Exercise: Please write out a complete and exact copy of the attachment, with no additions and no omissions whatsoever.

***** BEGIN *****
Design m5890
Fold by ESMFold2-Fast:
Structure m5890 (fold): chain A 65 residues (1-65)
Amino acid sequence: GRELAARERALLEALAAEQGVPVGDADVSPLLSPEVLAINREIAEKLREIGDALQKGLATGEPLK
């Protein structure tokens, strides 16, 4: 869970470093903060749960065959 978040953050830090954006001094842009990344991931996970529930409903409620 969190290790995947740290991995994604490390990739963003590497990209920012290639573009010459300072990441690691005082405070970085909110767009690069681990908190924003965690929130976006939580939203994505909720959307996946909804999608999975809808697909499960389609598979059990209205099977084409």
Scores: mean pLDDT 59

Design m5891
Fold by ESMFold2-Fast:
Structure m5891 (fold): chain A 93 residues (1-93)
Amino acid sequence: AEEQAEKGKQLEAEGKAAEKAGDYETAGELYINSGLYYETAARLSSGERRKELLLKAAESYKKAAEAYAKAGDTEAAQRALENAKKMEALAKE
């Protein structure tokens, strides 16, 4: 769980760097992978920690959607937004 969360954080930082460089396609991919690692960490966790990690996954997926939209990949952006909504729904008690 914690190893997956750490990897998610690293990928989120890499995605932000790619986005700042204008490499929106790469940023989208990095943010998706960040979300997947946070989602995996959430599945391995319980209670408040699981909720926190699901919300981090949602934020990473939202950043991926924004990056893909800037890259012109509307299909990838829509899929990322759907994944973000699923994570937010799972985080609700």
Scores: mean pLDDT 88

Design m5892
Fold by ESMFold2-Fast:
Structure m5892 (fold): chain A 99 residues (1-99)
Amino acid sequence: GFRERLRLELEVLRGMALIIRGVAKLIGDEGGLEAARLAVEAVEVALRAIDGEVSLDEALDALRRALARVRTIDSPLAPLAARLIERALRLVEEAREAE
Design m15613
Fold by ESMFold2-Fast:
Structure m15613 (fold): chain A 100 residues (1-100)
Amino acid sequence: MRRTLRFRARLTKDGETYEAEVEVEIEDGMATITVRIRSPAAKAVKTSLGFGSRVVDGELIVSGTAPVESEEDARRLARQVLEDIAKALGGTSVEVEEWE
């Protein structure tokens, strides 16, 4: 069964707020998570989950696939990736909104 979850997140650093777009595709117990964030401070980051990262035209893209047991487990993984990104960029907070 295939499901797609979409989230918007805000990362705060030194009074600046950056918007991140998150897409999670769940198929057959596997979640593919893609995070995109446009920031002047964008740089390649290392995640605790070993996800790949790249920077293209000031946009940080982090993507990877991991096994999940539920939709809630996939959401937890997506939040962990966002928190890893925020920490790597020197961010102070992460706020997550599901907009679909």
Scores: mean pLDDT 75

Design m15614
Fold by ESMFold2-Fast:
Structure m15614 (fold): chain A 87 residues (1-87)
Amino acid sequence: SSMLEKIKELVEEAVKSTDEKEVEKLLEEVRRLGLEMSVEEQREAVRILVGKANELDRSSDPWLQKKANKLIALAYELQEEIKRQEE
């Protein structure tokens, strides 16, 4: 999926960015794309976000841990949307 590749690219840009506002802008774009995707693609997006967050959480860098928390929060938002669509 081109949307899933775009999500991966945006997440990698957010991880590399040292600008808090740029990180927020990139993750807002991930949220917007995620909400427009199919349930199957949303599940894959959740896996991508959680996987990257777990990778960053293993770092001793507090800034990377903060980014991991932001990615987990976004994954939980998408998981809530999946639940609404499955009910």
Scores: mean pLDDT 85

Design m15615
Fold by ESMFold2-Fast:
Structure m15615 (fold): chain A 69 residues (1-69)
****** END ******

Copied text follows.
Design m5890
Fold by ESMFold2-Fast:
Structure m5890 (fold): chain A 65 residues (1-65)
Amino acid sequence: GRELAARERALLEALAAEQGVPVGDADVSPLLSPEVLAINREIAEKLREIGDALQKGLATGEPLK
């Protein structure tokens, strides 16, 4: 869970470093903060749960065959 978040953050830090954006001094842009990344991931996970529930409903409620 969190290790995947740290991995994604490390990739963003590497990209920012290639573009010459300072990441690691005082405070970085909110767009690069681990908190924003965690929130976006939580939203994505909720959307996946909804999608999975809808697909499960389609598979059990209205099977084409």
Scores: mean pLDDT 59

Design m5891
Fold by ESMFold2-Fast:
Structure m5891 (fold): chain A 93 residues (1-93)
Amino acid sequence: AEEQAEKGKQLEAEGKAAEKAGDYETAGELYINSGLYYETAARLSSGERRKELLLKAAESYKKAAEAYAKAGDTEAAQRALENAKKMEALAKE
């Protein structure tokens, strides 16, 4: 769980760097992978920690959607937004 969360954080930082460089396609991919690692960490966790990690996954997926939209990949952006909504729904008690 914690190893997956750490990897998610690293990928989120890499995605932000790619986005700042204008490499929106790469940023989208990095943010998706960040979300997947946070989602995996959430599945391995319980209670408040699981909720926190699901919300981090949602934020990473939202950043991926924004990056893909800037890259012109509307299909990838829509899929990322759907994944973000699923994570937010799972985080609700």
Scores: mean pLDDT 88

Design m5892
Fold by ESMFold2-Fast:
Structure m5892 (fold): chain A 99 residues (1-99)
Amino acid sequence: GFRERLRLELEVLRGMALIIRGVAKLIGDEGGLEAARLAVEAVEVALRAIDGEVSLDEALDALRRALARVRTIDSPLAPLAARLIERALRLVEEAREAE
Design m15613
Fold by ESMFold2-Fast:
Structure m15613 (fold): chain A 100 residues (1-100)
Amino acid sequence: MRRTLRFRARLTKDGETYEAEVEVEIEDGMATITVRIRSPAAKAVKTSLGFGSRVVDGELIVSGTAPVESEEDARRLARQVLEDIAKALGGTSVEVEEWE
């Protein structure tokens, strides 16, 4: 069964707020998570989950696939990736909104 979850997140650093777009595709117990964030401070980051990262035209893209047991487990993984990104960029907070 295939499901797609979409989230918007805000990362705060030194009074600046950056918007991140998150897409999670769940198929057959596997979640593919893609995070995109446009920031002047964008740089390649290392995640605790070993996800790949790249920077293209000031946009940080982090993507990877991991096994999940539920939709809630996939959401937890997506939040962990966002928190890893925020920490790597020197961010102070992460706020997550599901907009679909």
Scores: mean pLDDT 75

Design m15614
Fold by ESMFold2-Fast:
Structure m15614 (fold): chain A 87 residues (1-87)
Amino acid sequence: SSMLEKIKELVEEAVKSTDEKEVEKLLEEVRRLGLEMSVEEQREAVRILVGKANELDRSSDPWLQKKANKLIALAYELQEEIKRQEE
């Protein structure tokens, strides 16, 4: 999926960015794309976000841990949307 590749690219840009506002802008774009995707693609997006967050959480860098928390929060938002669509 081109949307899933775009999500991966945006997440990698957010991880590399040292600008808090740029990180927020990139993750807002991930949220917007995620909400427009199919349930199957949303599940894959959740896996991508959680996987990257777990990778960053293993770092001793507090800034990377903060980014991991932001990615987990976004994954939980998408998981809530999946639940609404499955009910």
Scores: mean pLDDT 85

Design m15615
Fold by ESMFold2-Fast:
Structure m15615 (fold): chain A 69 residues (1-69)